AIM Clinical Science Fellow Grantee: Dr. Madelaine Abel
Dr. Madelaine Abel is a Postdoctoral Fellow in the Child CBT Program at Massachusetts General Hospital (MGH). She completed her PhD in Clinical Child Psychology at the University of Kansas in 2022, along with a predoctoral internship in Clinical Psychology at MGH. A major focus of her research is examining the etiology and treatment of internalizing disorders (anxiety, depression) in children and their families. Dr. Abel is committed to conducting research that can inform efforts to increase children’s access to evidence-based care. To this end, Dr. Abel has studied family processes that increase and mitigate risk for child internalizing disorders, with the goal of informing mechanism-targeted treatment development. She has been involved in several projects evaluating primary treatment outcomes and studied family-level mechanisms of change in treatment, with the intention of matching treatments to children who will most benefit from them.
Project Summary: Cognitive Behavioral Therapy (CBT) is the treatment of choice for child and adolescent anxiety. However, up to 80% of youth with anxiety disorders do not access the services they need. CBT clinics nationwide have extremely long waits, on the order of 10-12 months. This leads to a vicious cycle, as children waiting for care experience worsening symptoms and decreased motivation, so that by the time they access care, their needs are more intense and the treatment lasts longer and it takes longer for new children to be able to be assigned.
The primary goal of Dr. Abel’s AIM Fellowship project is to evaluate the acceptability and efficacy of a single-session, self-guided, online intervention delivered to parents of children ages 5-12-years-old who are on the waitlist for outpatient CBT. The intervention takes 30 minutes to complete and targets parent accommodation, a tendency to facilitate avoidance and enable anxious coping that has been shown to maintain and worse child and anxiety OCD. Dr. Abel will conduct a randomized controlled trial to assess whether this brief intervention can prevent worsening of anxiety symptoms while children are on the waitlist and enhance the reduction of anxiety once children start treatment, thereby reducing treatment length.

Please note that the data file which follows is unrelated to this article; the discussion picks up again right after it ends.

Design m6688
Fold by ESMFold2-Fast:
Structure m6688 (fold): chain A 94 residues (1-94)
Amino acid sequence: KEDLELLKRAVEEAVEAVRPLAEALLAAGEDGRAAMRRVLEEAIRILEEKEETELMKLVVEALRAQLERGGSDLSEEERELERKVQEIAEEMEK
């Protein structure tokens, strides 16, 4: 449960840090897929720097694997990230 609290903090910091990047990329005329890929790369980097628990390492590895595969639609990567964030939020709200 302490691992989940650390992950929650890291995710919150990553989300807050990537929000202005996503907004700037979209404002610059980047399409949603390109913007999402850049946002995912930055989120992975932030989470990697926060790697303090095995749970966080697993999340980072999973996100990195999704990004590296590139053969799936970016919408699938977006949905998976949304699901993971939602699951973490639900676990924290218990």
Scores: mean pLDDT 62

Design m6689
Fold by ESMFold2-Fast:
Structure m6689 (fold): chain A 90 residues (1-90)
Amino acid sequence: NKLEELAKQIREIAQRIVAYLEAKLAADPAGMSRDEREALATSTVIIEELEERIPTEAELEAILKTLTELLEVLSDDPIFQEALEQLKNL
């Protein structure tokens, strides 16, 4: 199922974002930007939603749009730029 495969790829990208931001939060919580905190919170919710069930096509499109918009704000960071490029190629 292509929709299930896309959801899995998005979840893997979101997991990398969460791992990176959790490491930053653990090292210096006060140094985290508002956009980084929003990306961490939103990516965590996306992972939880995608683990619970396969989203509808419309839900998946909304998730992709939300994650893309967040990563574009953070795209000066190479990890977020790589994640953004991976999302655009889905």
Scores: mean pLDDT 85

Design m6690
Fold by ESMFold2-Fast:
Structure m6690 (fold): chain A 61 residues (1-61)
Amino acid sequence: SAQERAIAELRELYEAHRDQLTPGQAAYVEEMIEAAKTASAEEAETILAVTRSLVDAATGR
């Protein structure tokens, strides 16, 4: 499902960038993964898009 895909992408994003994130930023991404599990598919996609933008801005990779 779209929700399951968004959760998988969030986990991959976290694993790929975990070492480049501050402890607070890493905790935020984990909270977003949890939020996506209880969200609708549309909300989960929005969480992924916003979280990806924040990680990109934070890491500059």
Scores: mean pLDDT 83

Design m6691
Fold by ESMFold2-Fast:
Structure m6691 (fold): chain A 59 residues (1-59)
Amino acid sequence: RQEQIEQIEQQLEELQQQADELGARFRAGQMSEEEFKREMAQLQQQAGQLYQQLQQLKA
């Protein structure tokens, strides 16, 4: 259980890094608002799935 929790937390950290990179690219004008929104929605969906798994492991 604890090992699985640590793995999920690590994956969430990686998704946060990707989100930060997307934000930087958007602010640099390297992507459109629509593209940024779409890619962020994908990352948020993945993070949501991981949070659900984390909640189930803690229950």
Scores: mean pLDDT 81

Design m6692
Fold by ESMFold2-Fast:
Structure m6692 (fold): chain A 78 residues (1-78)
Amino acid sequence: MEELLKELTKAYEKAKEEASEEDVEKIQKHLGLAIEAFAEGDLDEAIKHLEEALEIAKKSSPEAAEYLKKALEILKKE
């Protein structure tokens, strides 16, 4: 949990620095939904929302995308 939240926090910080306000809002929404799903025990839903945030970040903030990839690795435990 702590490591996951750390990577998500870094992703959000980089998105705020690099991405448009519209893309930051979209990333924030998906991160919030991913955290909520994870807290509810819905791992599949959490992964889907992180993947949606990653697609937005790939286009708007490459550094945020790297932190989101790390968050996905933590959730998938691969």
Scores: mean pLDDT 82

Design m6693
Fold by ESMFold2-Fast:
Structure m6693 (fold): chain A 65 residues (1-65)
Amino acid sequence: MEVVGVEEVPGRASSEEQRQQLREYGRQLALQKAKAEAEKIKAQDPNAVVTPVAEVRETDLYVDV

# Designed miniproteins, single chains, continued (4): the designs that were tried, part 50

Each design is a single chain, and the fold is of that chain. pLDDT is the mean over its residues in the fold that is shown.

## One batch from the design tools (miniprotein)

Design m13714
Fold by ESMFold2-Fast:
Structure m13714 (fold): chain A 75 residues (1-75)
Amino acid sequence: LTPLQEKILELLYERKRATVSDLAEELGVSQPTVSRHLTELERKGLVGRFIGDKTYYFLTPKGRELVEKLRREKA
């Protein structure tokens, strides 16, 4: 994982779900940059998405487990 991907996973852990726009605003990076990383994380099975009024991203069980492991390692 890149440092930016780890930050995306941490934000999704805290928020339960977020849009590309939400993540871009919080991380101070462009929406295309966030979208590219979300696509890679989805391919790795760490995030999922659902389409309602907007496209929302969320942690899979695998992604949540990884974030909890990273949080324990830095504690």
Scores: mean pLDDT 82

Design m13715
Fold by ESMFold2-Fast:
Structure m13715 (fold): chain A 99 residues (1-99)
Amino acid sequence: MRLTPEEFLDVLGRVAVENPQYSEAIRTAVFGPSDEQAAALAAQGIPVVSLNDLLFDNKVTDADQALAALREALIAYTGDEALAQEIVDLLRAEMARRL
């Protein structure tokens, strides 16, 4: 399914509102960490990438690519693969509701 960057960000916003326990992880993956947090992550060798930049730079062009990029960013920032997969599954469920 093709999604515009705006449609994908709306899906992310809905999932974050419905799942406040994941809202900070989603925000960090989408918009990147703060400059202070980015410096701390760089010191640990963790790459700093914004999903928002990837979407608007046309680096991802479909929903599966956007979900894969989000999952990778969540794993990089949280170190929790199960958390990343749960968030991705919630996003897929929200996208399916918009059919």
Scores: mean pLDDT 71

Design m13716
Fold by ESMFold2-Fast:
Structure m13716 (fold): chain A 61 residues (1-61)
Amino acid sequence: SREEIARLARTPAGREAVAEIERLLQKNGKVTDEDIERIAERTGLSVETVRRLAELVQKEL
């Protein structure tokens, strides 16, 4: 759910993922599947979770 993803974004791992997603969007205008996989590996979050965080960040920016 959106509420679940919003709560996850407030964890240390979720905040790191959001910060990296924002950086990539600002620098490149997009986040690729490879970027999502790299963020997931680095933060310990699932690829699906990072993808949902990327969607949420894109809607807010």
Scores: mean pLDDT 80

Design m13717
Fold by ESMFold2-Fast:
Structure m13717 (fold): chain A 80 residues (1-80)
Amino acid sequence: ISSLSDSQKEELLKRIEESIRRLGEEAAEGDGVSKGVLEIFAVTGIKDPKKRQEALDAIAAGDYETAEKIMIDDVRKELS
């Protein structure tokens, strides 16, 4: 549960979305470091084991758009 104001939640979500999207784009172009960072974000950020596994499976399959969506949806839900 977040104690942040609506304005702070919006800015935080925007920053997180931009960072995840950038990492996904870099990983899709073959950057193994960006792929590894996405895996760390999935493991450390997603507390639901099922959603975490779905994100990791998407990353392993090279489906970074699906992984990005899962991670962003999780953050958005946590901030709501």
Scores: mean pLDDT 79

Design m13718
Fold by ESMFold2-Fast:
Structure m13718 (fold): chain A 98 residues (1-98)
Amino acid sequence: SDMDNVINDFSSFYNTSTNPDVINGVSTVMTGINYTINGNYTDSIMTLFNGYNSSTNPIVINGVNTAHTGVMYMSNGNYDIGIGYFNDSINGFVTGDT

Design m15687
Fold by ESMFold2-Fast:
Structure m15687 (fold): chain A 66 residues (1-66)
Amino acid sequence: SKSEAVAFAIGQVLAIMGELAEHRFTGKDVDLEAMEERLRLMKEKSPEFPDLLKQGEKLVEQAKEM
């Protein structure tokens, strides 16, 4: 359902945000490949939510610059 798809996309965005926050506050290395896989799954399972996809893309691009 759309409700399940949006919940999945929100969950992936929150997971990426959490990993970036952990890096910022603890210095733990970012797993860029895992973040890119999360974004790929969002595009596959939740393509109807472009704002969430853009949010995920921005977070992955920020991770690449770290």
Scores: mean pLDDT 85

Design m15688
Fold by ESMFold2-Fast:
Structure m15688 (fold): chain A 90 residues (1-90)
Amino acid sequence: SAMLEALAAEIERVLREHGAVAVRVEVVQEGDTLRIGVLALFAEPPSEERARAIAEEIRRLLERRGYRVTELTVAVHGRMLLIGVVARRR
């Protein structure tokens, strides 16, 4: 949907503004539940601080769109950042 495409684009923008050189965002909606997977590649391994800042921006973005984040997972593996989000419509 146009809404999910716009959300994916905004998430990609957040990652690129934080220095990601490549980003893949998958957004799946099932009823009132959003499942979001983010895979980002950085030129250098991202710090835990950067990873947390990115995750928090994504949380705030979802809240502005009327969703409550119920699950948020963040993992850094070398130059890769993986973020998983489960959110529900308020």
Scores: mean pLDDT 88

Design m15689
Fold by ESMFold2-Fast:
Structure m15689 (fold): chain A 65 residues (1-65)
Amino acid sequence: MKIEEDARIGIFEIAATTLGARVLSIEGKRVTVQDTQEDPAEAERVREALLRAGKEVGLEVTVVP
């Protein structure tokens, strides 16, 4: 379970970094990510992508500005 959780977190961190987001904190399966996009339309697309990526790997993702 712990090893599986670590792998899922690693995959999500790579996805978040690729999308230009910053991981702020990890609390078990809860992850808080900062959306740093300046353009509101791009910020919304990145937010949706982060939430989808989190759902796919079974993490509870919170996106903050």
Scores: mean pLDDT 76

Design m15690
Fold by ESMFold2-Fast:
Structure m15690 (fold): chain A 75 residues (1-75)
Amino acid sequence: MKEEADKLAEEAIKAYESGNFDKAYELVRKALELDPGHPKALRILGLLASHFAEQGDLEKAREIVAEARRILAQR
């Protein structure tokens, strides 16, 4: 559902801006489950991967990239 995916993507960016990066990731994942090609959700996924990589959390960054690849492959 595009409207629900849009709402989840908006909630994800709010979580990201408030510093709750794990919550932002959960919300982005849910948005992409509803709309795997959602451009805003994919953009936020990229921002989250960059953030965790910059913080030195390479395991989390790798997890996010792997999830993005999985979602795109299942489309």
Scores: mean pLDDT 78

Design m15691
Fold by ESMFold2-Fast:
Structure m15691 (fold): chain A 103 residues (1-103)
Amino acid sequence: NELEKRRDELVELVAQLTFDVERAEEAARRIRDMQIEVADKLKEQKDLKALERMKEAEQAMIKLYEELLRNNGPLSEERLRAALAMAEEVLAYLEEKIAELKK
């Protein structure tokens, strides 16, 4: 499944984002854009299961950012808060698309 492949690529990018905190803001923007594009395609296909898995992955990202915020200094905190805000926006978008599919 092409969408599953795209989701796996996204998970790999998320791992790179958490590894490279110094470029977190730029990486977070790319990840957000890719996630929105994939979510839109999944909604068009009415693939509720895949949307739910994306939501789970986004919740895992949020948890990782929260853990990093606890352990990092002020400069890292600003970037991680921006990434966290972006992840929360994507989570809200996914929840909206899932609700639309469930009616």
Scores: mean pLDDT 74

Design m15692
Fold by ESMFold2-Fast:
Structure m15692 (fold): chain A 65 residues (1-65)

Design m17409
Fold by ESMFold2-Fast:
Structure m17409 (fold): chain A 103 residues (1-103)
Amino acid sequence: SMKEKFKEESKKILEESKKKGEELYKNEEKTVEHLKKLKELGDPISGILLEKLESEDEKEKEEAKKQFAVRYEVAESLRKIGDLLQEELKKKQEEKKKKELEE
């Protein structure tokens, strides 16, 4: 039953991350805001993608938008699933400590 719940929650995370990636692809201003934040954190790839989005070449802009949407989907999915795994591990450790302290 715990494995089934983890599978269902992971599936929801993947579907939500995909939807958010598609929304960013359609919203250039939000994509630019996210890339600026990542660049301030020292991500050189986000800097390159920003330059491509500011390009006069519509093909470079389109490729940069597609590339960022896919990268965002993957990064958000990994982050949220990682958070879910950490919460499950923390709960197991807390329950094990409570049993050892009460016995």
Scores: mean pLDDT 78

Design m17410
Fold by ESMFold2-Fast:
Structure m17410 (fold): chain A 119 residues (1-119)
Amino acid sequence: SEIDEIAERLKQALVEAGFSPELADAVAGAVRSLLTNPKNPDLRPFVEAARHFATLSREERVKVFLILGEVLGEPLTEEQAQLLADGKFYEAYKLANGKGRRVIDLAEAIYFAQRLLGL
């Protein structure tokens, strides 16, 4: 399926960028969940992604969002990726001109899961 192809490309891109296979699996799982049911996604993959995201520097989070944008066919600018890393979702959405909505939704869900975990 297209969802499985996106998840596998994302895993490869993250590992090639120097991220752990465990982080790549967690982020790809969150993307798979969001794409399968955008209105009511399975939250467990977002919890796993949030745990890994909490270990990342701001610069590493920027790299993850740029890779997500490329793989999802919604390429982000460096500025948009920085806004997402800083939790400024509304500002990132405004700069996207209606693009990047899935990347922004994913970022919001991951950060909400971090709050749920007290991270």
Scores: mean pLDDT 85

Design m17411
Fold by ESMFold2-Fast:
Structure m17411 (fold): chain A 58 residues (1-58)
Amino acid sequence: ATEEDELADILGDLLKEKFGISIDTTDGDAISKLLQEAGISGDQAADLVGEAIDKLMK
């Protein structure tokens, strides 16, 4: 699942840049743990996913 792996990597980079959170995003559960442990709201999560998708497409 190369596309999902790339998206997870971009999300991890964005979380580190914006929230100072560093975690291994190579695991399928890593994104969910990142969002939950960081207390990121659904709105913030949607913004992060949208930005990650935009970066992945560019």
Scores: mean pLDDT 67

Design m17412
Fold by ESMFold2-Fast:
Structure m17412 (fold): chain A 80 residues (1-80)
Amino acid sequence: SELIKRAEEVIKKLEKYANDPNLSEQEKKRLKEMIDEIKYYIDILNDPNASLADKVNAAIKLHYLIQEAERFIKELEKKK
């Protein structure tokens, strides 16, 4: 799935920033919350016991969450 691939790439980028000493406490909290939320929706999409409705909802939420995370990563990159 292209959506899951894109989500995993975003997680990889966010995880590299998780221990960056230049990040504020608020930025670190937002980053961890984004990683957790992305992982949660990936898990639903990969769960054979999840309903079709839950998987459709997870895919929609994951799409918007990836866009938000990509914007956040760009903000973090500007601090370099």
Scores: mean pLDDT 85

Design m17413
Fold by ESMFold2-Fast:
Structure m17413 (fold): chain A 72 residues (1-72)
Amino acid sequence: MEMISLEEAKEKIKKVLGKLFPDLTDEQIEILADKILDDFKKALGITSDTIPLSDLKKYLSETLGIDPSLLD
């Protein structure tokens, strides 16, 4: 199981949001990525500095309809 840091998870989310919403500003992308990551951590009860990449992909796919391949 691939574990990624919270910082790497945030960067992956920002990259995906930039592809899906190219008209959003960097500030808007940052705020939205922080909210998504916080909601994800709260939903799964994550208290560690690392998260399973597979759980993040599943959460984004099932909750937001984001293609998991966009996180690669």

Impact: Online, self-guided interventions offer a promising method to deliver brief, targeted services to parents of children on lengthy psychological services waitlists, potentially providing families with a boost prior to services start and even reducing the need for long-term therapy once they do access treatment, thereby increasing access for others. Dr. Abel plans to use findings from her research to guide future efforts to disseminate and increase children’s access toevidence-based treatment for anxiety and OCD.